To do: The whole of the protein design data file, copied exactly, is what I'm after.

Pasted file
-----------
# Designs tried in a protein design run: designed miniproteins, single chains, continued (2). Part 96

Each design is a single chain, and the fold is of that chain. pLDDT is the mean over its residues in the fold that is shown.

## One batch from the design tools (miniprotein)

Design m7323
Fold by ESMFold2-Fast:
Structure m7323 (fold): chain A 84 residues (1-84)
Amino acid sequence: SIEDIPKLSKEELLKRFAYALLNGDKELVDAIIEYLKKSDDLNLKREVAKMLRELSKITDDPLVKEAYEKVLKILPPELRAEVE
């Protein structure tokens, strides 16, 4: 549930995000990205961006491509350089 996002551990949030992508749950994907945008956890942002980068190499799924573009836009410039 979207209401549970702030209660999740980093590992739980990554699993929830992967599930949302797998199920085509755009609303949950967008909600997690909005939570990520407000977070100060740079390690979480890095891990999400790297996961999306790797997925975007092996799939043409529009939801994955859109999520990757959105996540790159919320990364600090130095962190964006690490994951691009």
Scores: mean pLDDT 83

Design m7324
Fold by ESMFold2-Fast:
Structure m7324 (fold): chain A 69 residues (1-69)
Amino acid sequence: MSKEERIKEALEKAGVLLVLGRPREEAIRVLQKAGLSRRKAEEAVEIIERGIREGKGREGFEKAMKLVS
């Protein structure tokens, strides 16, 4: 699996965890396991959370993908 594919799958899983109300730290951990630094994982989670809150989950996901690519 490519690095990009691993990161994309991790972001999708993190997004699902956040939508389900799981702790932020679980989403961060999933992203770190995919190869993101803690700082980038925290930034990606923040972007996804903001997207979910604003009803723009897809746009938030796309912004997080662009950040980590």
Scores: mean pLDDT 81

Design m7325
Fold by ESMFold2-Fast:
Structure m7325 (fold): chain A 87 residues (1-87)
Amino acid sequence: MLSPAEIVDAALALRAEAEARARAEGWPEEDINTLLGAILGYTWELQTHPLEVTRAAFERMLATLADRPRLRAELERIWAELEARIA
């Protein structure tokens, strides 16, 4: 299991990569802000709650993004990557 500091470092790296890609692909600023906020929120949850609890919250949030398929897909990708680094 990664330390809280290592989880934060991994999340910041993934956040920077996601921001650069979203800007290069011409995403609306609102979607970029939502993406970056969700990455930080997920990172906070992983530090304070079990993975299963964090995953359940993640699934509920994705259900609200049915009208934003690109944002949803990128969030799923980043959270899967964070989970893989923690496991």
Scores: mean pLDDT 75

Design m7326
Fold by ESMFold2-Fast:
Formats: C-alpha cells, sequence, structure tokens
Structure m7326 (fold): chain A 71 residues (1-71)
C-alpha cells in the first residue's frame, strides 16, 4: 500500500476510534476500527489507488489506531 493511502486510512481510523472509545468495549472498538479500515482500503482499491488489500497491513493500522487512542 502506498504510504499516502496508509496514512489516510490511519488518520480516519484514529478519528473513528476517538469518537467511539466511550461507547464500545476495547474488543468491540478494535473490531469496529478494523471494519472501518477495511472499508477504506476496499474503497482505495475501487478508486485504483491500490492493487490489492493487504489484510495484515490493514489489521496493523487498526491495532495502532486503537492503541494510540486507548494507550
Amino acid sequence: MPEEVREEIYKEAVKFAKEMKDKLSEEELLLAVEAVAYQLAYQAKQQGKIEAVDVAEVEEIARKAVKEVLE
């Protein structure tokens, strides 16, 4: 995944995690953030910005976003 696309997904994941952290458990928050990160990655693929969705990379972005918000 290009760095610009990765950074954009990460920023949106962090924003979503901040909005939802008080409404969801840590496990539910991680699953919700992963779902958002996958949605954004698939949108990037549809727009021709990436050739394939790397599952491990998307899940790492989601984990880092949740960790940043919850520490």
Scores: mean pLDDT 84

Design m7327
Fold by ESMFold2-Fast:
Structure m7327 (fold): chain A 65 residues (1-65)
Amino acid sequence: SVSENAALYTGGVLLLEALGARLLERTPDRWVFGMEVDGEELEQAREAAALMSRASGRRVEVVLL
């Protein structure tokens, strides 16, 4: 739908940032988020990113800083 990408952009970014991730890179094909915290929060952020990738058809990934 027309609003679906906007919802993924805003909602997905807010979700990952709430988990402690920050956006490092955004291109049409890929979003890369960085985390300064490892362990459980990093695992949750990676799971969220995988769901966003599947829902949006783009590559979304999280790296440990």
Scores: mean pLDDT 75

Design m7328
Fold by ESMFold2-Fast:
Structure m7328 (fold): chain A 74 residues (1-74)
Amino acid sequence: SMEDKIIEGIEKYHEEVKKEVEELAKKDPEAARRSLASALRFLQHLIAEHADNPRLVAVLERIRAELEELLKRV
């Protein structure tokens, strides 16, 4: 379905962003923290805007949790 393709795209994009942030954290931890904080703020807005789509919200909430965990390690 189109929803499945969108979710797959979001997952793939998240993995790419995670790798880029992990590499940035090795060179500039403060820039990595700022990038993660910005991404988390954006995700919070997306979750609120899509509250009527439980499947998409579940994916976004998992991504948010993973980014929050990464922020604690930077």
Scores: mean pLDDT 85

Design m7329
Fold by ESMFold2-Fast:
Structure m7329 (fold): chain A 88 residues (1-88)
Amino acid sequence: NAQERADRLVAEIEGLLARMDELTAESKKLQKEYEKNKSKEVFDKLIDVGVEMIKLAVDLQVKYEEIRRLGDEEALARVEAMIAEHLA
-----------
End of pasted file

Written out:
# Designs tried in a protein design run: designed miniproteins, single chains, continued (2). Part 96

Each design is a single chain, and the fold is of that chain. pLDDT is the mean over its residues in the fold that is shown.

## One batch from the design tools (miniprotein)

Design m7323
Fold by ESMFold2-Fast:
Structure m7323 (fold): chain A 84 residues (1-84)
Amino acid sequence: SIEDIPKLSKEELLKRFAYALLNGDKELVDAIIEYLKKSDDLNLKREVAKMLRELSKITDDPLVKEAYEKVLKILPPELRAEVE
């Protein structure tokens, strides 16, 4: 549930995000990205961006491509350089 996002551990949030992508749950994907945008956890942002980068190499799924573009836009410039 979207209401549970702030209660999740980093590992739980990554699993929830992967599930949302797998199920085509755009609303949950967008909600997690909005939570990520407000977070100060740079390690979480890095891990999400790297996961999306790797997925975007092996799939043409529009939801994955859109999520990757959105996540790159919320990364600090130095962190964006690490994951691009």
Scores: mean pLDDT 83

Design m7324
Fold by ESMFold2-Fast:
Structure m7324 (fold): chain A 69 residues (1-69)
Amino acid sequence: MSKEERIKEALEKAGVLLVLGRPREEAIRVLQKAGLSRRKAEEAVEIIERGIREGKGREGFEKAMKLVS
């Protein structure tokens, strides 16, 4: 699996965890396991959370993908 594919799958899983109300730290951990630094994982989670809150989950996901690519 490519690095990009691993990161994309991790972001999708993190997004699902956040939508389900799981702790932020679980989403961060999933992203770190995919190869993101803690700082980038925290930034990606923040972007996804903001997207979910604003009803723009897809746009938030796309912004997080662009950040980590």
Scores: mean pLDDT 81

Design m7325
Fold by ESMFold2-Fast:
Structure m7325 (fold): chain A 87 residues (1-87)
Amino acid sequence: MLSPAEIVDAALALRAEAEARARAEGWPEEDINTLLGAILGYTWELQTHPLEVTRAAFERMLATLADRPRLRAELERIWAELEARIA
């Protein structure tokens, strides 16, 4: 299991990569802000709650993004990557 500091470092790296890609692909600023906020929120949850609890919250949030398929897909990708680094 990664330390809280290592989880934060991994999340910041993934956040920077996601921001650069979203800007290069011409995403609306609102979607970029939502993406970056969700990455930080997920990172906070992983530090304070079990993975299963964090995953359940993640699934509920994705259900609200049915009208934003690109944002949803990128969030799923980043959270899967964070989970893989923690496991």
Scores: mean pLDDT 75

Design m7326
Fold by ESMFold2-Fast:
Formats: C-alpha cells, sequence, structure tokens
Structure m7326 (fold): chain A 71 residues (1-71)
C-alpha cells in the first residue's frame, strides 16, 4: 500500500476510534476500527489507488489506531 493511502486510512481510523472509545468495549472498538479500515482500503482499491488489500497491513493500522487512542 502506498504510504499516502496508509496514512489516510490511519488518520480516519484514529478519528473513528476517538469518537467511539466511550461507547464500545476495547474488543468491540478494535473490531469496529478494523471494519472501518477495511472499508477504506476496499474503497482505495475501487478508486485504483491500490492493487490489492493487504489484510495484515490493514489489521496493523487498526491495532495502532486503537492503541494510540486507548494507550
Amino acid sequence: MPEEVREEIYKEAVKFAKEMKDKLSEEELLLAVEAVAYQLAYQAKQQGKIEAVDVAEVEEIARKAVKEVLE
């Protein structure tokens, strides 16, 4: 995944995690953030910005976003 696309997904994941952290458990928050990160990655693929969705990379972005918000 290009760095610009990765950074954009990460920023949106962090924003979503901040909005939802008080409404969801840590496990539910991680699953919700992963779902958002996958949605954004698939949108990037549809727009021709990436050739394939790397599952491990998307899940790492989601984990880092949740960790940043919850520490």
Scores: mean pLDDT 84

Design m7327
Fold by ESMFold2-Fast:
Structure m7327 (fold): chain A 65 residues (1-65)
Amino acid sequence: SVSENAALYTGGVLLLEALGARLLERTPDRWVFGMEVDGEELEQAREAAALMSRASGRRVEVVLL
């Protein structure tokens, strides 16, 4: 739908940032988020990113800083 990408952009970014991730890179094909915290929060952020990738058809990934 027309609003679906906007919802993924805003909602997905807010979700990952709430988990402690920050956006490092955004291109049409890929979003890369960085985390300064490892362990459980990093695992949750990676799971969220995988769901966003599947829902949006783009590559979304999280790296440990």
Scores: mean pLDDT 75

Design m7328
Fold by ESMFold2-Fast:
Structure m7328 (fold): chain A 74 residues (1-74)
Amino acid sequence: SMEDKIIEGIEKYHEEVKKEVEELAKKDPEAARRSLASALRFLQHLIAEHADNPRLVAVLERIRAELEELLKRV
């Protein structure tokens, strides 16, 4: 379905962003923290805007949790 393709795209994009942030954290931890904080703020807005789509919200909430965990390690 189109929803499945969108979710797959979001997952793939998240993995790419995670790798880029992990590499940035090795060179500039403060820039990595700022990038993660910005991404988390954006995700919070997306979750609120899509509250009527439980499947998409579940994916976004998992991504948010993973980014929050990464922020604690930077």
Scores: mean pLDDT 85

Design m7329
Fold by ESMFold2-Fast:
Structure m7329 (fold): chain A 88 residues (1-88)
Amino acid sequence: NAQERADRLVAEIEGLLARMDELTAESKKLQKEYEKNKSKEVFDKLIDVGVEMIKLAVDLQVKYEEIRRLGDEEALARVEAMIAEHLA